As lovers across the world celebrated St. Valentine’s Day yesterday, a survey conducted by NOIPolls has revealed that 66 per cent of Nigerians do not use a condom, even though 92 per cent know what a condom is.
This was revealed at a press briefing organised by AIDS Health Foundation (AHF), in collaboration with the National Agency for the control of AIDS (NACA) and NOIPolls held in Abuja to mark this year’s International Condom Day (ICD) and also to present the results of a national poll on condom access and utilisation in Nigeria.
Presenting the report of the poll, Chief Executive Director of NOIPolls, Dr. Chike Nwangwu, said the survey, which was carried out in all the six geopolitical zones, showed that while 83 per cent of the people agree on the importance of condom use, 61 per cent asked for free distribution across the country to help prevent diseases and early pregnancy.
Nwangwu, however, called for more advocacy by the government and stakeholders to create more awareness, accessibility, and use of condoms, especially in rural areas.
Also speaking at the event, AHF-Nigeria Country Program Director, Dr. Echey Ijezie, said ICD is observed yearly by the body to promote safer sex awareness in a fun and creative way while encouraging people to use condoms.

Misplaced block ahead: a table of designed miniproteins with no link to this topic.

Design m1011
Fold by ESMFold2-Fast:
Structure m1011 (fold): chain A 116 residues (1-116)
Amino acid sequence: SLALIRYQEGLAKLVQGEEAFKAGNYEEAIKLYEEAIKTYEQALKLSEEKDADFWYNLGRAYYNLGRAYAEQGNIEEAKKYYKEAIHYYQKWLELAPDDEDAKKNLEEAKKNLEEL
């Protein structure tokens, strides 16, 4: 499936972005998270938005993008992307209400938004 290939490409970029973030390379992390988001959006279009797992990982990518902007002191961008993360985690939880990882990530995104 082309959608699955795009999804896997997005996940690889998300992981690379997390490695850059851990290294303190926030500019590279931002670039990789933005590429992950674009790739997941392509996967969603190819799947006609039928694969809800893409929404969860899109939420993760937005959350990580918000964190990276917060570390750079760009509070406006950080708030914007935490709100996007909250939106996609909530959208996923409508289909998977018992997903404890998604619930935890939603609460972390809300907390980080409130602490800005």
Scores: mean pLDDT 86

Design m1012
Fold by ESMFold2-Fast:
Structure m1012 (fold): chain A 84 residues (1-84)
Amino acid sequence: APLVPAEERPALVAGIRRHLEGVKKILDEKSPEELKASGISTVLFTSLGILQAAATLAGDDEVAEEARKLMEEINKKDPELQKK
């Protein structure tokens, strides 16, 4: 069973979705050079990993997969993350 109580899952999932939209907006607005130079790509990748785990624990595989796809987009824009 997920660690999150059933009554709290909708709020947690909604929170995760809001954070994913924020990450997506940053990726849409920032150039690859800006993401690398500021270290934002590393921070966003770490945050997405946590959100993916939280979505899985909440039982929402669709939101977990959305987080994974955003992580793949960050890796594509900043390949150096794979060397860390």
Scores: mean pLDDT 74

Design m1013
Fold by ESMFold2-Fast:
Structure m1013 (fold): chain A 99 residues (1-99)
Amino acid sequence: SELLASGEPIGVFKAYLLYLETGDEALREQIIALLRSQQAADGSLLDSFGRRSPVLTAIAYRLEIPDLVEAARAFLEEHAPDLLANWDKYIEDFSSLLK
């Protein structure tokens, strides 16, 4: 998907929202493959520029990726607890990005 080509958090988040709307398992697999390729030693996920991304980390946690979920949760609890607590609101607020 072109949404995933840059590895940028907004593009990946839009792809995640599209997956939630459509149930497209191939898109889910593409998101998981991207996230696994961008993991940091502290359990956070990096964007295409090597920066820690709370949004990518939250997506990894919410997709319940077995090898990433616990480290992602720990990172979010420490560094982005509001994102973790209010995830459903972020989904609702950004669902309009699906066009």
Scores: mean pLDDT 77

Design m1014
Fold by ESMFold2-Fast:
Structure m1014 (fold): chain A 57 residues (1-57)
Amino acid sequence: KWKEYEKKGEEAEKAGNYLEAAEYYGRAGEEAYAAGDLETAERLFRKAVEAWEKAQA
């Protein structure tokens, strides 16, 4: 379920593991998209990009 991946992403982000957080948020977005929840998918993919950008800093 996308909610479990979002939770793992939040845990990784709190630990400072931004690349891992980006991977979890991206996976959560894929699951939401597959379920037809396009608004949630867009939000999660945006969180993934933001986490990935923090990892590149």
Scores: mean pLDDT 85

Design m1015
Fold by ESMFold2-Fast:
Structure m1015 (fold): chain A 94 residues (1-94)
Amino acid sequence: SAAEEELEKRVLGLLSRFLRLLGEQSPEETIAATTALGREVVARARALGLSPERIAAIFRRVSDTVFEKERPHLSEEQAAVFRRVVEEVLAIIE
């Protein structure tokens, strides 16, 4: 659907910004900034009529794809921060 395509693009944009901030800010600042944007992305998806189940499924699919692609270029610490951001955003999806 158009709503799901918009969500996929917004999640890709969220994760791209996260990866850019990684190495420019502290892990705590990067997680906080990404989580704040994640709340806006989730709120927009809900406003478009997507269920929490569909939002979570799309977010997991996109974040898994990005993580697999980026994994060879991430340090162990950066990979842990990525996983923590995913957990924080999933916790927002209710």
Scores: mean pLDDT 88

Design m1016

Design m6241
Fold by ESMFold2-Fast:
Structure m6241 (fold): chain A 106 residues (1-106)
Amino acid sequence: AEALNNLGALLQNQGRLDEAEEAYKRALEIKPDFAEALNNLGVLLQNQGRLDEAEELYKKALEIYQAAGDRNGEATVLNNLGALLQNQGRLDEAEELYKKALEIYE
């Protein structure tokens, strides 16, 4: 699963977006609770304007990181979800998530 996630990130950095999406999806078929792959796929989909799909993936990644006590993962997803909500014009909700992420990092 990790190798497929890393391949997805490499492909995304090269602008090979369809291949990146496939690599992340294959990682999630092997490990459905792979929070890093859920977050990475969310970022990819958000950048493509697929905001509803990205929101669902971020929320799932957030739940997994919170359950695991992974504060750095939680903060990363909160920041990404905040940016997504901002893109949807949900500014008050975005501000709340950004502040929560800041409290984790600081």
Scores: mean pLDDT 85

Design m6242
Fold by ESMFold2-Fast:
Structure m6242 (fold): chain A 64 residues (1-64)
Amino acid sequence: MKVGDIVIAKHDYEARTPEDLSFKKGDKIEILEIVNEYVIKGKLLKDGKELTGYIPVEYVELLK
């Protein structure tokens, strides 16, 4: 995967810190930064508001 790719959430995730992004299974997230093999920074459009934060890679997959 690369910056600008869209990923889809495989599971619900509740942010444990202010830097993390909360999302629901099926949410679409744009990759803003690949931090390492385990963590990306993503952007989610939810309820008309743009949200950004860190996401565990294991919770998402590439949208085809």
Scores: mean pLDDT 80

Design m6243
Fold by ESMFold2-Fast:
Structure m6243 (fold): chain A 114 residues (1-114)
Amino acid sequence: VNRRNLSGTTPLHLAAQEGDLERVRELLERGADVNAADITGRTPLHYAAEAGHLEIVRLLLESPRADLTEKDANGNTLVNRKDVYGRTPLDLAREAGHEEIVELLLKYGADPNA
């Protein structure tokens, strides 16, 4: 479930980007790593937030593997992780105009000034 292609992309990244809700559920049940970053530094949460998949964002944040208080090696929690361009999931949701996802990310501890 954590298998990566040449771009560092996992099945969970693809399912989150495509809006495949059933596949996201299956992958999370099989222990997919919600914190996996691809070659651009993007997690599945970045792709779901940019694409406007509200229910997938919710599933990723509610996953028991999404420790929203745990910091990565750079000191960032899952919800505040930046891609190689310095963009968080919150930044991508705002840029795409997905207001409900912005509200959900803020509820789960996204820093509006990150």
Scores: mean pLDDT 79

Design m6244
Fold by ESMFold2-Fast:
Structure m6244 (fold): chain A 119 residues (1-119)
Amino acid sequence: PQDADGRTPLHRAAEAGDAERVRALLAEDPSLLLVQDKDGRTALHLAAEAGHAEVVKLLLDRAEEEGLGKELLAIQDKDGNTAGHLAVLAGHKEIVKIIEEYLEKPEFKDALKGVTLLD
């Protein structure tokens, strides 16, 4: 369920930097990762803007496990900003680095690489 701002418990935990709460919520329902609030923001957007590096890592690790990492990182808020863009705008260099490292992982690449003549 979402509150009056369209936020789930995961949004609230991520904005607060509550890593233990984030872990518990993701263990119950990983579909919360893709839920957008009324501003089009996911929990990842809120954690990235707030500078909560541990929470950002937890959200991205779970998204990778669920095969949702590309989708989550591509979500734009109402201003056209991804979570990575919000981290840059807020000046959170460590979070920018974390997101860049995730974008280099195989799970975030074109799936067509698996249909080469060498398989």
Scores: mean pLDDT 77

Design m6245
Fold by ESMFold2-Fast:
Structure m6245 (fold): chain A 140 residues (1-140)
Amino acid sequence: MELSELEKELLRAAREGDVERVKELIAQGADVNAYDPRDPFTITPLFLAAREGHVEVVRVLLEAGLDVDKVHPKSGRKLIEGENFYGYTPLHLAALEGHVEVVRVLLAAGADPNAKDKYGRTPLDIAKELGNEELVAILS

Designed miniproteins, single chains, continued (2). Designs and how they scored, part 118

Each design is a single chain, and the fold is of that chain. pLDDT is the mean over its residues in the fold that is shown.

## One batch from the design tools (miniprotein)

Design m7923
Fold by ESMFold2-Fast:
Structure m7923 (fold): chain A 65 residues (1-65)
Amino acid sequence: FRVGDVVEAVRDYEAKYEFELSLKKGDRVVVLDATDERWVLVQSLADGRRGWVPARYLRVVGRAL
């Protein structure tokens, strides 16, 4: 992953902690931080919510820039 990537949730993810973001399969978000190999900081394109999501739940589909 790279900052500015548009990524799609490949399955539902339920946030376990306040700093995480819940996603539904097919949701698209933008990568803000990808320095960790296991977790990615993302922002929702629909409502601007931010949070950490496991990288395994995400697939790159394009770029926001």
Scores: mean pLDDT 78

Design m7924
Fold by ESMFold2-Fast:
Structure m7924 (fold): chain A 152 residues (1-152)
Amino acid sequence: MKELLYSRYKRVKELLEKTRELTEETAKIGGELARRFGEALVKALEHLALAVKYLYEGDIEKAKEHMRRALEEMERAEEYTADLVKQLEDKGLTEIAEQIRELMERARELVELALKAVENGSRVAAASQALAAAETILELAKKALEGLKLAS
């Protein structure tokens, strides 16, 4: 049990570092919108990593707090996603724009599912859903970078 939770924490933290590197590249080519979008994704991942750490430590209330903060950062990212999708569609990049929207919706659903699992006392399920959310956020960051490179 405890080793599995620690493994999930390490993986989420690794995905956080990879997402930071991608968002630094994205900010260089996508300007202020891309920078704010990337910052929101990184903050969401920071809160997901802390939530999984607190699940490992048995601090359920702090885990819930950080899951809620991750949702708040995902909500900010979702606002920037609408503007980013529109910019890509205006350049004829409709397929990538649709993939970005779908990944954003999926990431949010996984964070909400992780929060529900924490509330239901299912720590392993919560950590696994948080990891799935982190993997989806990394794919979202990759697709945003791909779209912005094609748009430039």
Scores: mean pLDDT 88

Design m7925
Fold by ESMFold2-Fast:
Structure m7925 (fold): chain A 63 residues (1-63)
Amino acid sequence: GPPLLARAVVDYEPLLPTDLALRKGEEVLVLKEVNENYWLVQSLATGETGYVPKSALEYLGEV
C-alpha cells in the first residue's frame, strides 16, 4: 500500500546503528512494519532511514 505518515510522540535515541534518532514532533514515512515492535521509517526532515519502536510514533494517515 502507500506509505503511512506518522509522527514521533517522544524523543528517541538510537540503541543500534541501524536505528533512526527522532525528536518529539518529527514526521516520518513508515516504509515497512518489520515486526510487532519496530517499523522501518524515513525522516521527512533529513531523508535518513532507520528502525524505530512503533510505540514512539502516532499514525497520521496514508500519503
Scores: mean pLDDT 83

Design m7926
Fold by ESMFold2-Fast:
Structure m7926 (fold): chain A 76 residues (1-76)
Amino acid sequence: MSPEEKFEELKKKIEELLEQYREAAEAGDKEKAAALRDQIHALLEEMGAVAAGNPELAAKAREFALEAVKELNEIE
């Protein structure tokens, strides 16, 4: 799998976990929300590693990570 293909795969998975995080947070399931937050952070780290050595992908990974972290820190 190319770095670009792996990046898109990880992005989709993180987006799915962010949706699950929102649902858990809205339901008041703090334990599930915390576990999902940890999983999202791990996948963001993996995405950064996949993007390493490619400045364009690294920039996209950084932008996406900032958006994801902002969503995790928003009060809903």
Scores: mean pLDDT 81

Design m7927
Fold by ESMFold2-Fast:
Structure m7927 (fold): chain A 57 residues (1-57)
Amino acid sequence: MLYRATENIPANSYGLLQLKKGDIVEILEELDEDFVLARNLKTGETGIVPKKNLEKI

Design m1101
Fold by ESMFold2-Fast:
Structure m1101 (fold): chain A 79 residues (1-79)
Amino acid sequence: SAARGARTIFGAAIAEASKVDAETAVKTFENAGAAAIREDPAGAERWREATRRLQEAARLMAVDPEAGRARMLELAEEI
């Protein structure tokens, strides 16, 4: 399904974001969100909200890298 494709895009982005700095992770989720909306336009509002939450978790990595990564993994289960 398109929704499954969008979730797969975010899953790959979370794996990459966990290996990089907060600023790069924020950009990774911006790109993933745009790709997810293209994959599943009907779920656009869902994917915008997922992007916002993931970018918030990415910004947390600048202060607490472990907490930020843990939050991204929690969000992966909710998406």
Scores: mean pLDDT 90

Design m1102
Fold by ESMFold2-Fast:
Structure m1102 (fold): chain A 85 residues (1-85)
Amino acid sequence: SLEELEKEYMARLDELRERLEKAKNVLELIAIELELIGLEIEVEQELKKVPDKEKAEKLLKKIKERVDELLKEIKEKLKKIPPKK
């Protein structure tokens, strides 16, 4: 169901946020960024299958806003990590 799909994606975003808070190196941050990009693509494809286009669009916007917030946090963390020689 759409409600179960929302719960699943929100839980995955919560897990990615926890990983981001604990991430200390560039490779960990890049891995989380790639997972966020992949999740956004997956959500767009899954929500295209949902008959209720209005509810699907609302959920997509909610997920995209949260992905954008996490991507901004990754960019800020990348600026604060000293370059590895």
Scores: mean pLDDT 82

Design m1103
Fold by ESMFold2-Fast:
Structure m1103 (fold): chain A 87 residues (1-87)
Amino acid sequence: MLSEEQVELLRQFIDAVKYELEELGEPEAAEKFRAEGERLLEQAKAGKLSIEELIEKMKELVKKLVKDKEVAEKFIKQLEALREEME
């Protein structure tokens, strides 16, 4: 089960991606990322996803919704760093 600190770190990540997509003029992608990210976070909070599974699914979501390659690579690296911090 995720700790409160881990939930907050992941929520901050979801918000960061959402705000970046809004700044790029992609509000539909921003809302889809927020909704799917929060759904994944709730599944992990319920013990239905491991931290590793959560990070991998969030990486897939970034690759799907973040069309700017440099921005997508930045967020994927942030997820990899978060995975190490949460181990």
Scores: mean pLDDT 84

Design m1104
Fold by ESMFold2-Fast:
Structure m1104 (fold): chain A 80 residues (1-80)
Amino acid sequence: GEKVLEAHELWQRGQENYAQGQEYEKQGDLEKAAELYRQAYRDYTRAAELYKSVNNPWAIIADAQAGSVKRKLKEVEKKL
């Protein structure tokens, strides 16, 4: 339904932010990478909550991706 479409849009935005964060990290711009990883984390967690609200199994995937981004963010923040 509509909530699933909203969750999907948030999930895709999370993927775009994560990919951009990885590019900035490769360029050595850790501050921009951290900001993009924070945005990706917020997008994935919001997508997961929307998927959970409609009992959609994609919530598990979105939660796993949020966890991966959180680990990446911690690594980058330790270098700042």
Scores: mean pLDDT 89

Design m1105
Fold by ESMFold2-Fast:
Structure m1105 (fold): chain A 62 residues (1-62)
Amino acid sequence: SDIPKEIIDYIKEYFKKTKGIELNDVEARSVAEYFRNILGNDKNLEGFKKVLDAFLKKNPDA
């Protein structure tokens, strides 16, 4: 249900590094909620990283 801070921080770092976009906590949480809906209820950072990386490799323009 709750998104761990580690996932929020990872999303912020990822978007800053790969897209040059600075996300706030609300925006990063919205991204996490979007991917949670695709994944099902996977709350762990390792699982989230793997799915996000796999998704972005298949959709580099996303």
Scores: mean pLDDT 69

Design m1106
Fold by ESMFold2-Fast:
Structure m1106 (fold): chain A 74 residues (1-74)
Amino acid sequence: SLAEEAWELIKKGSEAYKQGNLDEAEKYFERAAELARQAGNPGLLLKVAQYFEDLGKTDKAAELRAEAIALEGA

“AHF has distributed over eight million free condoms across Nigeria in the past nine years in the national intervention against HIV/AIDS and other sexually transmitted diseases, and we will be distributing at least 250,000 this year in our continuous support to bridge Nigeria’s annual condom gap of about 600million,” he said.
Speaking earlier, Director General of NACA, Dr. Gambo Aliyu, in his address, said the agency couldn’t monitor the national response without evaluating how preventive measures could help against the spread of diseases.
Aliyu, while advising Nigerians to stay away from risky behaviours in the celebration of Valentine’s Day, noted: “We are encouraging people to share love, but not share HIV/AIDS.
“That is why we promote the use of preventive measures, whatever they are, to reduce the chances of disease transmission.